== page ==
Appraisals are required by almost every lender. An appraisal is done by an independent third party individual who has no interest in the sale of a property.
Appraisals are to protect both the investment made by the mortgage company and the investment made by the purchaser. The appraisal will visit the property and makes notes in regards to the size, rooms and finishing inside the home. The appraiser will then prepare the appraisal based upon comparable sales in the area in the past 6 months to a year. (This time frame may be longer if no other comparables are found.)
What happens after the appraisal? The mortgage company receives a copy of the appraisal and reviews the appraisal to the sale price. If the home appraises for a value higher than the sale price, all is good in the sale. If the home appraises for a value lower than the sale price, there are options. Be sure to check with your Realtor®, as every Agreement to Purchase may have different options.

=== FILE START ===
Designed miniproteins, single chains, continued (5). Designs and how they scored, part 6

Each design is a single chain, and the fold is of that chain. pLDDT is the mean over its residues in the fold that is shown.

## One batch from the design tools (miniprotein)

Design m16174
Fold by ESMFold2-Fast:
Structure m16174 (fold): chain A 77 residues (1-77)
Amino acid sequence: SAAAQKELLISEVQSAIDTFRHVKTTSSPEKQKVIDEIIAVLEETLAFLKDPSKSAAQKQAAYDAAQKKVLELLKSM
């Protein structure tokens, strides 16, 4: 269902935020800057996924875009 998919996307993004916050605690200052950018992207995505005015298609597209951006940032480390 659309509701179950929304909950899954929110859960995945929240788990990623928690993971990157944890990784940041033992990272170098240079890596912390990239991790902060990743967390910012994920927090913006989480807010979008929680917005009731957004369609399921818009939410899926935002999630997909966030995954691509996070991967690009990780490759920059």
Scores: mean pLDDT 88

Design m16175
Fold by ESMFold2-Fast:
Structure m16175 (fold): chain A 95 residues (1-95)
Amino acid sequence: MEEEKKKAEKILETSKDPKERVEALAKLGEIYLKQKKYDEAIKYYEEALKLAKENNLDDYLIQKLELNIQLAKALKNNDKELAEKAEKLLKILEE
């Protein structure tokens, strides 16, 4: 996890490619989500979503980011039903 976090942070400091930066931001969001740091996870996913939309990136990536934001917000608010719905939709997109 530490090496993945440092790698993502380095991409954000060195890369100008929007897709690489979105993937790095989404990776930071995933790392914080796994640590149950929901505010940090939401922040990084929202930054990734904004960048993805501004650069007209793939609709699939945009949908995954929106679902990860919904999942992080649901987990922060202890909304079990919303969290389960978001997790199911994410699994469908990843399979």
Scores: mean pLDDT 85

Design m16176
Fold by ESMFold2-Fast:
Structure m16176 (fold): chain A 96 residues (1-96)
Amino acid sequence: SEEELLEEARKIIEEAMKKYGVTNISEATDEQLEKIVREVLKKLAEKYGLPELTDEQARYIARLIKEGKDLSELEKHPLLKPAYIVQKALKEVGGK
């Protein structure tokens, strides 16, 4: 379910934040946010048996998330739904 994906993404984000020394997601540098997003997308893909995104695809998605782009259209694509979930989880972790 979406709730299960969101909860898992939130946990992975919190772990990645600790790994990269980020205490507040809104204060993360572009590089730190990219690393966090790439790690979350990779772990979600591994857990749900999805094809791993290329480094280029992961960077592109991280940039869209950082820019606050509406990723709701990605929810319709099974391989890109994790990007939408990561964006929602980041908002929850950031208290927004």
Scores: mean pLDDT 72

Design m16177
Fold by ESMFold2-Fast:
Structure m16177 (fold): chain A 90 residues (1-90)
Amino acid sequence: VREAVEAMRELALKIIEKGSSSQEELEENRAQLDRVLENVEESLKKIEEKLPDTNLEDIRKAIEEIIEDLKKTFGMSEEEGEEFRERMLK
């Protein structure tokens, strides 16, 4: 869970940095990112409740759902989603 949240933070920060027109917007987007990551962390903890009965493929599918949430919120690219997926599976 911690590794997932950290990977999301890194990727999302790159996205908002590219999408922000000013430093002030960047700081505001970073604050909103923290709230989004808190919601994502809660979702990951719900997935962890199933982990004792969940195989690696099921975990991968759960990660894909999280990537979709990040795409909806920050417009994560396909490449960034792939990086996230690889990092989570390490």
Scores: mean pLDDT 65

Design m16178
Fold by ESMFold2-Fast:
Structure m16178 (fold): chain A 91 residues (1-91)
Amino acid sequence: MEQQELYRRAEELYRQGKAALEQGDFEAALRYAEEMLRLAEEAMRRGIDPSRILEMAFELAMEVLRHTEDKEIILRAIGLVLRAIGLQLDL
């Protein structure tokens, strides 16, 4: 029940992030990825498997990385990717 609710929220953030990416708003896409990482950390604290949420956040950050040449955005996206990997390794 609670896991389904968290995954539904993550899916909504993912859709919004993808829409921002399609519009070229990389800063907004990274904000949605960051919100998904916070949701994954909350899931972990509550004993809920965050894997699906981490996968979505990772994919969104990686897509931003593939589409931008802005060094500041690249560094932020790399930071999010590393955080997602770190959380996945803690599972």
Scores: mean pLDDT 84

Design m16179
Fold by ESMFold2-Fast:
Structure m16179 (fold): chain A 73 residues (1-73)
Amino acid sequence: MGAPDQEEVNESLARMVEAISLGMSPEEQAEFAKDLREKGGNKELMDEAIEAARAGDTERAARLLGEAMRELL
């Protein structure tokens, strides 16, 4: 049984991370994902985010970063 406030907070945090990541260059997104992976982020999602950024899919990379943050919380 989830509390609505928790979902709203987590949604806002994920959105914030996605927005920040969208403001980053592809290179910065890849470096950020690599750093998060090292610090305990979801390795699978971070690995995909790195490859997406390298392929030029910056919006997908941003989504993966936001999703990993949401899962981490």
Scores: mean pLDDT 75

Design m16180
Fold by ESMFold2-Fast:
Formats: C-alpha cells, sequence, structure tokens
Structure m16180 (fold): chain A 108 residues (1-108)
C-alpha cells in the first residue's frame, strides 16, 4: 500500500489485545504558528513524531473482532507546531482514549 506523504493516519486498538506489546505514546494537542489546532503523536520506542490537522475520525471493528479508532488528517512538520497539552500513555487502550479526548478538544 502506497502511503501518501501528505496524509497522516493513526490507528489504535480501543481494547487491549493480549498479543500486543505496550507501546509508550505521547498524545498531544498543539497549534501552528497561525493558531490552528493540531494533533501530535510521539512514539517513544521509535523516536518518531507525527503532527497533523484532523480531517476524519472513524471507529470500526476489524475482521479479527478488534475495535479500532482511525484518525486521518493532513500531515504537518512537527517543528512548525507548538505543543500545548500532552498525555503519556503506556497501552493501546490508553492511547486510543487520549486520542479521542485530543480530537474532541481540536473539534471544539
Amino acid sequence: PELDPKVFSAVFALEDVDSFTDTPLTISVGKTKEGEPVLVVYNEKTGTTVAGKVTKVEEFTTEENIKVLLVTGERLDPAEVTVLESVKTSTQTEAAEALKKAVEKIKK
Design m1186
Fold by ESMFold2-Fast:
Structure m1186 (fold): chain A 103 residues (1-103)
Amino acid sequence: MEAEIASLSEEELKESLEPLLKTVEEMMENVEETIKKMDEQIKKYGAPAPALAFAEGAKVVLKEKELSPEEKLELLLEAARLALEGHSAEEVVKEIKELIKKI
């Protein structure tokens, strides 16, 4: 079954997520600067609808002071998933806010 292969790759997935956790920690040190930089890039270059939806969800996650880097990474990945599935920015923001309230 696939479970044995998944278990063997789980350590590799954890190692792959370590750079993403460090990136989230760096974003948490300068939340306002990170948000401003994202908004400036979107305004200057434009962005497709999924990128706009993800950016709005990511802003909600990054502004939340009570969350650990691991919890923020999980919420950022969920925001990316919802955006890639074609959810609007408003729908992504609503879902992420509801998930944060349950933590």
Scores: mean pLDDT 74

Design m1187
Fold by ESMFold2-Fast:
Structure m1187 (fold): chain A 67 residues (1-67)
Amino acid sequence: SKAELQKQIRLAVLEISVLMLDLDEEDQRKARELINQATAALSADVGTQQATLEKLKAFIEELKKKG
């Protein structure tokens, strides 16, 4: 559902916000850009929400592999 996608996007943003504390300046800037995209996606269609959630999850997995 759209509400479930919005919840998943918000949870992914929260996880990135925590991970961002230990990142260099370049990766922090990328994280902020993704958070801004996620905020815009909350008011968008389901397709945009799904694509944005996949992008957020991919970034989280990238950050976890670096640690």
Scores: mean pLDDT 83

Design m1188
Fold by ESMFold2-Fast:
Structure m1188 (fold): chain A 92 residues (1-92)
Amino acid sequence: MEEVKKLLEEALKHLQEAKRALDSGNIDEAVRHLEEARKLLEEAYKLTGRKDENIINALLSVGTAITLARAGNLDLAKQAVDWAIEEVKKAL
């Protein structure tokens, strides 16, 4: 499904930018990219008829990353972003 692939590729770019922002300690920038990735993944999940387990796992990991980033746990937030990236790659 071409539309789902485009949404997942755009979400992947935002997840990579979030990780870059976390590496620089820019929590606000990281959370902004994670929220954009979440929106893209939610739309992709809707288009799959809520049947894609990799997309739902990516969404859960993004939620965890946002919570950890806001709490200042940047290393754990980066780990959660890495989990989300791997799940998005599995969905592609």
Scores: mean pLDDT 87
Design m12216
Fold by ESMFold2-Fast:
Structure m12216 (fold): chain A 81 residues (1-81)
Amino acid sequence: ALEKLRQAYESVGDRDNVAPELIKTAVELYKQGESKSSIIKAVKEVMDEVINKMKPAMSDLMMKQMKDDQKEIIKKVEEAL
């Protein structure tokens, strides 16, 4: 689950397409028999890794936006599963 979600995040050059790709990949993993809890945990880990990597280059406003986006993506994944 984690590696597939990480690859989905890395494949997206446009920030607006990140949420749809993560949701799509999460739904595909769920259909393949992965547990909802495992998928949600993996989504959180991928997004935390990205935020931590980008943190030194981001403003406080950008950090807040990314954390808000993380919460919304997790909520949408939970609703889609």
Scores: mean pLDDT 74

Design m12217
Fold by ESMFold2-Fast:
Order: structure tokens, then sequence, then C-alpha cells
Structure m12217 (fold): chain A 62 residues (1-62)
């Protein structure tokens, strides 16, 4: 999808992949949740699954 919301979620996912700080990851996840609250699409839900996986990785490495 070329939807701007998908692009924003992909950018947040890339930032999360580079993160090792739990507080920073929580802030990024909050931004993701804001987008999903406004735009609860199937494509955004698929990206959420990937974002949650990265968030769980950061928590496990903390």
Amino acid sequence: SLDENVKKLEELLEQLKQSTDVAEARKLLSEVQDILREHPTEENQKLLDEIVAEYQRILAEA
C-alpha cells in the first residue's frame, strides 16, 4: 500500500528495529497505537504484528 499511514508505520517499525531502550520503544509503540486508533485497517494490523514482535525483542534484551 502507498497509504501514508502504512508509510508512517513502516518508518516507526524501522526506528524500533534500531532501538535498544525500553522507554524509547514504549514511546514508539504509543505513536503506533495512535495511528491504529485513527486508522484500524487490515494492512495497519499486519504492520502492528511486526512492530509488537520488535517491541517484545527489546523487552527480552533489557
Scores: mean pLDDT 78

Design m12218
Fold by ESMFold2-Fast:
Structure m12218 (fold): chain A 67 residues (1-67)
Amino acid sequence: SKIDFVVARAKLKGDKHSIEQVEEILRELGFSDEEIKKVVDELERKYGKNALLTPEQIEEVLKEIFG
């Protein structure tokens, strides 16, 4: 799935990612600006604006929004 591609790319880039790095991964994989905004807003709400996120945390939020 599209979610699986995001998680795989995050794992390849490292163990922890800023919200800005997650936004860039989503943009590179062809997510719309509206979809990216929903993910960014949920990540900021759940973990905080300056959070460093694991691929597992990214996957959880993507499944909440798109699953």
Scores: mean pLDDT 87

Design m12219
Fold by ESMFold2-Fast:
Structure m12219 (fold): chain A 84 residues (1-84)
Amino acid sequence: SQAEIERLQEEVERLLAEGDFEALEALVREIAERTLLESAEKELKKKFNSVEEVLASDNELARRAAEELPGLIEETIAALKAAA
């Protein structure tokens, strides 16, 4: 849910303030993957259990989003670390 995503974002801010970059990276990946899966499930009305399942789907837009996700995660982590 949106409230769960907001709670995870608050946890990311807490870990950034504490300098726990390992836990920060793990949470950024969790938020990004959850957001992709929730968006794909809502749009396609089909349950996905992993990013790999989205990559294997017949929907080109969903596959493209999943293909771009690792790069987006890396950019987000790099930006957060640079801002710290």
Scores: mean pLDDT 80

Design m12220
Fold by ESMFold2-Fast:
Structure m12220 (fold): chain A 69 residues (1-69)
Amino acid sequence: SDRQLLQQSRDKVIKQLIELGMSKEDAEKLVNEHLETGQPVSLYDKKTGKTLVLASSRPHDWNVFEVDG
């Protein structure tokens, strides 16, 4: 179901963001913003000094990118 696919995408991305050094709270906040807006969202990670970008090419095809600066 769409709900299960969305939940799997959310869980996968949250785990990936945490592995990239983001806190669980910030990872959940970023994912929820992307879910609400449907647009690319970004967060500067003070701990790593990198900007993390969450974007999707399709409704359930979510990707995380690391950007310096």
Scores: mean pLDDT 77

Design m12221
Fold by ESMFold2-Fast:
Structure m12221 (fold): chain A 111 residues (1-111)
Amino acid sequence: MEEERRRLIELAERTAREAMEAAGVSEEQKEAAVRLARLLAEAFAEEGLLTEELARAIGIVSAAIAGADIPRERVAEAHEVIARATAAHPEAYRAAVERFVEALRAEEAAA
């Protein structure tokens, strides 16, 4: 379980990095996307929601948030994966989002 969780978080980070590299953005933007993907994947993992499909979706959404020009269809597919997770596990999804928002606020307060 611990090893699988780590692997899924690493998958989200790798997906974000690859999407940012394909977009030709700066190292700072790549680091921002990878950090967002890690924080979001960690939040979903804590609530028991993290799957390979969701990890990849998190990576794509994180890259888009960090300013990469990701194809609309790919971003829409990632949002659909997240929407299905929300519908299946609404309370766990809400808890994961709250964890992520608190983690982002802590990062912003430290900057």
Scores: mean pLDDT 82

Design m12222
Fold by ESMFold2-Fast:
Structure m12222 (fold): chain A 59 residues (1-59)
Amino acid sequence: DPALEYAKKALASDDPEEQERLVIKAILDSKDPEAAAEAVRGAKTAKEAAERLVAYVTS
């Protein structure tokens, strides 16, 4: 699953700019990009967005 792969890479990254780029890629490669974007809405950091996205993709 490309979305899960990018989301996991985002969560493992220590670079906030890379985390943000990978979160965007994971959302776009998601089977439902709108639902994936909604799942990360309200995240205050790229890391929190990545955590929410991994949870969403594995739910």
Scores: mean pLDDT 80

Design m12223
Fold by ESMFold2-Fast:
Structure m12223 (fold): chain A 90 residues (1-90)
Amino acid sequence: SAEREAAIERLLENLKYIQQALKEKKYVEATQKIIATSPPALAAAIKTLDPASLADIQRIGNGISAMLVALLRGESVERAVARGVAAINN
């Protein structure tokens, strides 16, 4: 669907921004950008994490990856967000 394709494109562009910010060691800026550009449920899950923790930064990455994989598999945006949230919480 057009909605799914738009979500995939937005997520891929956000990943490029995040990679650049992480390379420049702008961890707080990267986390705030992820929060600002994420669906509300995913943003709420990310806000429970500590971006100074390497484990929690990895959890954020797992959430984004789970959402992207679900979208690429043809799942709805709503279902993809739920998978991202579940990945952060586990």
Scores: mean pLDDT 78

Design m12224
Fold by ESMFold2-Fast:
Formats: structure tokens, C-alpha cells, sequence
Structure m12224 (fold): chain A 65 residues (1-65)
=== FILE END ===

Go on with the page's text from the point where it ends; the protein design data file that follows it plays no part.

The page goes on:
The first option is the Buyer notifies the seller they want to reduce the purchase price to the appraisal value. Both parties may agree to the price reduction or they can renegotiate. The second option is the Buyer can proceed to closing with the agreed upon purchase price and will have to pay the difference between the purchase price and the appraised value. The third option is the Buyer may terminate the Agreement To Buy and Sell Real Estate and depending on the financing and Agreement the Buyer may or may not forfeit their Earnest Money.